Reading Divided Spirits, I found myself searching for a phrase to explain the phenomena that Bowen outlines. I wanted something along the lines of greenwashing—the idea of marketing a product to appear more environmentally friendly that it actually is—but from a social justice perspective. A phrase that signaled how the marketing of products like tequila make them seem more equitable—for every pair of hands that tended fields of agave plants or drove import trucks north—than they really are.
In the second part of Divided Spirits, Bowen contrasts Mexico’s tequila production with its growing mezcal market. She speaks to the desire of the conscious consumer hoping to change the world through shopping choices (as I scratch my head over organic pasta choices or recycled paper-towel brands). Mezcal is surging in the United States, and mezcal fans appreciate its artisanal roots. Here, Bowen poses uncomfortable questions about being a conscious consumer in a market of many untraceable links.
Bowen contends that making a difference in a national or international economy requires more than the correct type of shopping receipt. “While it is clear there is a market for justice,” Bowen writes, “the market is not just.” She points out how many farmers (though not all) are paid quite poorly for the agaves they grow, even while the idea of the humble mezcalero is used by American producers to sell mezcal. Bowen writes that many mezcaleros don’t understand the extent to which they are cheated because they cannot fathom the true worth of their mezcal to an American market. The owner of a Mexican mezcal bar tells her that some producers pay mezcaleros 30 pesos (about $1.74) per liter of mezcal that they sell for $200 per bottle.
When consumers vote with their dollars, their choices can be disquieting. Bowen’s work illustrates how the values of wealthy buyers don’t always match the values of struggling producers: Affluent consumers are willing to pay more for environmentally friendly products, but are not willing to pay more in order to address social injustice.
And yet the combined political efforts of the entire chain of mezcal production and consumption—from agave growers in Mexico to bartenders and consumers on both sides of the border—have helped small-scale mezcaleros resist pressure to industrialize and homogenize mezcal. In 2011, large-scale producers tried to ban producers outside the DO from using the word agave in mezcal labels (they already are banned from using the word mezcal). They also tried to legalize using up to 49 percent generic sugars (instead of agave) in mezcal production—while banning agave sugar percentage labels.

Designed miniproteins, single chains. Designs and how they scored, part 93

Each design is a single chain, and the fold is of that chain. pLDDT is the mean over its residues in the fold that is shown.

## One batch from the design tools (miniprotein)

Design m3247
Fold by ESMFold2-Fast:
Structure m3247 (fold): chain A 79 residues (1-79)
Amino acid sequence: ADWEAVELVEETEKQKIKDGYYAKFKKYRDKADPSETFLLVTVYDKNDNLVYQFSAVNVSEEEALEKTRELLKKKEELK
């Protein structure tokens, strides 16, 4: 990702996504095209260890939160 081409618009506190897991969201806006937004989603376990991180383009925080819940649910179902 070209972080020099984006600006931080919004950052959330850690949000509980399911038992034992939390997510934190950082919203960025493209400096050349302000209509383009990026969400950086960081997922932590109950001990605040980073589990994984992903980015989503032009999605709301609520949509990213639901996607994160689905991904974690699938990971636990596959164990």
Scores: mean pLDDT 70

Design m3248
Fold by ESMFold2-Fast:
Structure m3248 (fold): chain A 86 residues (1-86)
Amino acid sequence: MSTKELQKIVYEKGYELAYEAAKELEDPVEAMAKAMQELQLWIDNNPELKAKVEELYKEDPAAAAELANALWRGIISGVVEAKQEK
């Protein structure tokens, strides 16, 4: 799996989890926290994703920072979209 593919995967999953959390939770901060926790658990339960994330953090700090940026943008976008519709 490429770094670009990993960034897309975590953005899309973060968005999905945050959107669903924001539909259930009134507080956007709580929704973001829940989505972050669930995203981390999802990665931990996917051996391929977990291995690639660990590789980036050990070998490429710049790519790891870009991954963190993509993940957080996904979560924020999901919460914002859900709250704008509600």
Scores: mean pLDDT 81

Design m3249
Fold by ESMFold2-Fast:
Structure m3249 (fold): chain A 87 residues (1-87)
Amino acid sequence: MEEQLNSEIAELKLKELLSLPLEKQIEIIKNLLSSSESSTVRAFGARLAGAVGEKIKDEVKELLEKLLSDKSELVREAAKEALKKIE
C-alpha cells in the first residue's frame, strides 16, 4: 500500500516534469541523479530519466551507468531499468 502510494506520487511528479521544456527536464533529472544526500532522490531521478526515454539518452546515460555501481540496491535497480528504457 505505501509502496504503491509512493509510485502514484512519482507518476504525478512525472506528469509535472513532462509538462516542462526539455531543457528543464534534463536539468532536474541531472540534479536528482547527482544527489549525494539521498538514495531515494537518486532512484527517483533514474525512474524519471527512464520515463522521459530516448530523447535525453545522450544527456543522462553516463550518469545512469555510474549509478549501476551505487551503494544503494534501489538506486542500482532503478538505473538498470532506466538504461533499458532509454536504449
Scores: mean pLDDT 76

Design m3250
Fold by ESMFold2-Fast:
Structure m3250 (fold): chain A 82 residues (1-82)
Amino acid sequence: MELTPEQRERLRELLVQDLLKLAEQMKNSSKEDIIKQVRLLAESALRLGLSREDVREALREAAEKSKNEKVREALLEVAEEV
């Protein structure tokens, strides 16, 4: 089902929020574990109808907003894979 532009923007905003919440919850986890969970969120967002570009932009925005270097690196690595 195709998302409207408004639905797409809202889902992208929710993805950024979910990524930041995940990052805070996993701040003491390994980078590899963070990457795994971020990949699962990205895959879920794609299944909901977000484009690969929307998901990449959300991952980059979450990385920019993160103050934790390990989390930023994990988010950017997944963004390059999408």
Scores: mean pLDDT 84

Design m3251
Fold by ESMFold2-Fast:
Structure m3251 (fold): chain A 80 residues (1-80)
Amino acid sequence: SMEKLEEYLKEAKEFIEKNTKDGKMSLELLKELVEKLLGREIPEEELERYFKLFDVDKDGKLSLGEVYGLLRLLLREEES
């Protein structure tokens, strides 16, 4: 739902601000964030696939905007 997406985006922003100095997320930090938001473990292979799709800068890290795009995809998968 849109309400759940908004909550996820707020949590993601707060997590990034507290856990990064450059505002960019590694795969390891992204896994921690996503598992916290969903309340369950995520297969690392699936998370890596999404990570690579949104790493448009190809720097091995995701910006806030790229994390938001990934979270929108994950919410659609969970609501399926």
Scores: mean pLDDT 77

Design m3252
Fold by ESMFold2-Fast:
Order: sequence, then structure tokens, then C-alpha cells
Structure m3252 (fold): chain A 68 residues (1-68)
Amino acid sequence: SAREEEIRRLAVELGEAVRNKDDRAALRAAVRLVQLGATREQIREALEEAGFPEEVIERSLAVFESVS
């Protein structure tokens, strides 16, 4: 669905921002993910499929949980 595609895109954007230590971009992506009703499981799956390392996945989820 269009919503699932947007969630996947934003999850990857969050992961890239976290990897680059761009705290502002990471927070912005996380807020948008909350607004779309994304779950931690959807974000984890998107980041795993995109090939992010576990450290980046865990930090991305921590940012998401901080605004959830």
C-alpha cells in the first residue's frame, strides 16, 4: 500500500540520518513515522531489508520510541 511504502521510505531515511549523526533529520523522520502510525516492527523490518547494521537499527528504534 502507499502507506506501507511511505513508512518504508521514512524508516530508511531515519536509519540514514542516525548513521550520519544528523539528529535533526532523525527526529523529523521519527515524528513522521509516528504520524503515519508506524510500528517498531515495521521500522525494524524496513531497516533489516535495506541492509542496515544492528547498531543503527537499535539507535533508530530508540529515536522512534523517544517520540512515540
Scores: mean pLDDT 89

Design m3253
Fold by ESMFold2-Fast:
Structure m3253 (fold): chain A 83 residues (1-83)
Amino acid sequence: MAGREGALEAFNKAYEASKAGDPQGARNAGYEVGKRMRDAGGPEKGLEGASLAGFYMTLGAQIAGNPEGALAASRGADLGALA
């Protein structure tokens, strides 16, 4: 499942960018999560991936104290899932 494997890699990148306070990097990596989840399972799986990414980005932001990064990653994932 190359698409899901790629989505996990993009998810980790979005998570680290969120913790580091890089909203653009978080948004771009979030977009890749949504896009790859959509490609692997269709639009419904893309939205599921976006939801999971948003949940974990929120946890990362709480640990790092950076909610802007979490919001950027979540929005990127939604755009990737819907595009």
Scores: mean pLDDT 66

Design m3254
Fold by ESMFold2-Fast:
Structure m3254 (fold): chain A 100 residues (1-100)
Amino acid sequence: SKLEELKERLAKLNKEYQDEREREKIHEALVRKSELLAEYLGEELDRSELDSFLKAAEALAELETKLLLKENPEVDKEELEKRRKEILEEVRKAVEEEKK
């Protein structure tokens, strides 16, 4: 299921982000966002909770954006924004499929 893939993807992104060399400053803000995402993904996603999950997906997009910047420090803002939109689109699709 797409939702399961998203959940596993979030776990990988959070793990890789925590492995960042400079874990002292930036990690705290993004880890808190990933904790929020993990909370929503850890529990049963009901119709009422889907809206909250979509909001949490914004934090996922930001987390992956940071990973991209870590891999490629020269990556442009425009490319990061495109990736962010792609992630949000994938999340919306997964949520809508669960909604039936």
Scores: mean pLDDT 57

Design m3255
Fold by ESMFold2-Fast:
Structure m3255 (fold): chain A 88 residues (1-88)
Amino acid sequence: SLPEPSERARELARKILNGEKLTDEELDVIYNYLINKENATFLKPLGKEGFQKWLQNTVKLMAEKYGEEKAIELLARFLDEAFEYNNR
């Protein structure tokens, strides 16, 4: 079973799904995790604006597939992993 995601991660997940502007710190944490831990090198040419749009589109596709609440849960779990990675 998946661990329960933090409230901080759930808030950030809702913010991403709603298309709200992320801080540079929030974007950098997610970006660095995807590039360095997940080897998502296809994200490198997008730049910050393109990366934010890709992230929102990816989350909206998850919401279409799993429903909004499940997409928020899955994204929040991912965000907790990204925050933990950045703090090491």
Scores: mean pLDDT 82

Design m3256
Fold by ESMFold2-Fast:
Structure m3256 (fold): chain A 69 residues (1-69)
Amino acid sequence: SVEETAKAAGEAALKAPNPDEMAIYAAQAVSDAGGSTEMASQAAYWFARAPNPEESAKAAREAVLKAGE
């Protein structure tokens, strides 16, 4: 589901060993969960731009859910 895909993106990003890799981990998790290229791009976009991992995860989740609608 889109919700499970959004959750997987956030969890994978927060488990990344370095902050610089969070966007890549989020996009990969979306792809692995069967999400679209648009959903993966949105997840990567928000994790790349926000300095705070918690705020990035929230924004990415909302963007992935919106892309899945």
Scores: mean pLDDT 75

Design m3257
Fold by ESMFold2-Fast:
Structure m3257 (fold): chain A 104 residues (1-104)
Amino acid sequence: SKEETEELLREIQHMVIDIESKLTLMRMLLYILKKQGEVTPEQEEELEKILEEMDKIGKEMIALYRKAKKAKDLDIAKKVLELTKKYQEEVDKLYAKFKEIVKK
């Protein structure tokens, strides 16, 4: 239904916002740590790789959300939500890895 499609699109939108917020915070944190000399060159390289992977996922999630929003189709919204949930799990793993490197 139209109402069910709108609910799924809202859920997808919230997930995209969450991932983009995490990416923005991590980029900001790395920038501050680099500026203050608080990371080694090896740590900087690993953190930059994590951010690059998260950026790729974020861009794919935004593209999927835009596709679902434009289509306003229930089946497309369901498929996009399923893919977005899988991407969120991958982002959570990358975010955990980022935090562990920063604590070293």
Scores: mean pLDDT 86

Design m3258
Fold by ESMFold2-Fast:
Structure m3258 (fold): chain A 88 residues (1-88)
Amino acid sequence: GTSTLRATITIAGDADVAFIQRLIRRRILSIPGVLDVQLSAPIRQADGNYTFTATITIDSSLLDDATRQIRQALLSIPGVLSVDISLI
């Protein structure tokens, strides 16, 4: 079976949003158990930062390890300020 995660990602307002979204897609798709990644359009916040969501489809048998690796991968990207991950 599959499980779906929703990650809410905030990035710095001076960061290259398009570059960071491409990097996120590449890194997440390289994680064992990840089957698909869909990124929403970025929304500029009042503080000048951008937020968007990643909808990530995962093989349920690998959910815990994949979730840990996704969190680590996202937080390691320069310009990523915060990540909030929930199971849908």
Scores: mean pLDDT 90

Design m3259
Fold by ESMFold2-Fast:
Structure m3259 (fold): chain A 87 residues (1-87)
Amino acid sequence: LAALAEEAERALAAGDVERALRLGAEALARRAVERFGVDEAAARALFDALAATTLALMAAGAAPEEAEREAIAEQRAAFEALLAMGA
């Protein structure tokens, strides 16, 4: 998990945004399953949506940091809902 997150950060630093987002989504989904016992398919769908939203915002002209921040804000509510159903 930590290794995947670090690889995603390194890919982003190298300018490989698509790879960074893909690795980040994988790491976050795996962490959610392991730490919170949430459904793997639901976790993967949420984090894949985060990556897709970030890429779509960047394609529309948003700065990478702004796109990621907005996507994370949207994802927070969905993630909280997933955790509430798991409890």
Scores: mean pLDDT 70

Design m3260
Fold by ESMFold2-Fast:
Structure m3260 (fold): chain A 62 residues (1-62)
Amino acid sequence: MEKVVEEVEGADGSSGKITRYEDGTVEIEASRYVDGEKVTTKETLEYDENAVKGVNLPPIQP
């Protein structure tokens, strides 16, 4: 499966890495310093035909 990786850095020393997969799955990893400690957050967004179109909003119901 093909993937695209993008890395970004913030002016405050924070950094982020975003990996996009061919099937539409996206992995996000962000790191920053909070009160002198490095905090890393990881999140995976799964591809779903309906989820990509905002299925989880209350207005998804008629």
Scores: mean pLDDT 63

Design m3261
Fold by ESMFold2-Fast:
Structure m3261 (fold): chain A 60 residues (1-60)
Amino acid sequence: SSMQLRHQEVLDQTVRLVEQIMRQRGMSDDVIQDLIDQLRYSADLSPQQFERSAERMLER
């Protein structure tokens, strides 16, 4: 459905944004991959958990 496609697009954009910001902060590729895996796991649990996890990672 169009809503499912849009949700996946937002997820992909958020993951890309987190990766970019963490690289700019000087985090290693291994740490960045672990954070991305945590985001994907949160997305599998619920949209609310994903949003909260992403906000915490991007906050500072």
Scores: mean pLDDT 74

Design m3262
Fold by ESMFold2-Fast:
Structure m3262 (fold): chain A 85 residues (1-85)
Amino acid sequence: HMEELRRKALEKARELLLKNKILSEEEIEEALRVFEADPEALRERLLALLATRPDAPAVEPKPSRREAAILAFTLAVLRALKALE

A massive political response that included American bartenders, retailers, and consumers along with Mexican producers, bartenders, retailers, and consumers killed those proposals and helped to protect small-scale Mexican producers, for now. Bowen writes that this international political action focused on the rights of the consumer.
In the long run, Bowen suggests real change calls for political action at the state governance level—in Mexico and for Mexico—not only purchase by purchase.
Maya L. Kapoor lives in Tucson and writes about the environment.
Edited by Eric Magrane and Christopher Cokinos
Illustrations by Paul Mirocha
UA Press, 2016
By Jeevan Narney
Come human, you half-angel, half-monkey,
Come gather, come grind, come saw,
Come dislocate that which you will relocate in elegy.
Come cut and gather what you will fail to return,
For I am not loved, but I am needed.
Sell my hard temple to make a chair out of me
So that you can sit and look out at the pink-eyed sky,
Thinking, wouldn’t it be nice to sit against me and
Listen to the arid dialogue of doves wishing
They were bulletproof in my branches, which is
A wish as public as the sky dropping seeds of light
Quietly on my branches growing pink clusters.
Habitat: “Almost always at desert washes where water is more available,” writes Stan Tekiela.
Description: Growing to about thirty feet, but perhaps more typically between fifteen and twenty-five feet, the ironwood divides near its base into many branches and has a “round irregular crown.” It has blue-gray-green leaves with curved thorns at their base. Flowers in late spring or early summer are lavender to pink to white. The bark is gray.
Life History: There’s a national monument named after this tree and for good reason. It is long-lived (up to a thousand years) and hefty—the wood is so dense that “one cubic foot weighs 66 pounds,” according to A Field Guide to the Plants of America. It “is one of the heaviest woods in the world.” So the name is apt. This gravitas means the ironwood (1) does not float on water; (2) makes long-burning firewood and coals; and (3) is used by the Seri to make figurines and tools and by knife-makers to craft handles. The seeds of the ironwood are not well coated, so they sprout as soon as it rains, carpeting its understory in green. The foliage is thick enough that it can be much cooler within the world of the ironwood, attracting species needing a break from the doldrums of summer. Bees and hummers love the flowers for the week or so when they are out. The tree is browsed by deer, cattle, and bighorn sheep. It is the only species in its genus. ✜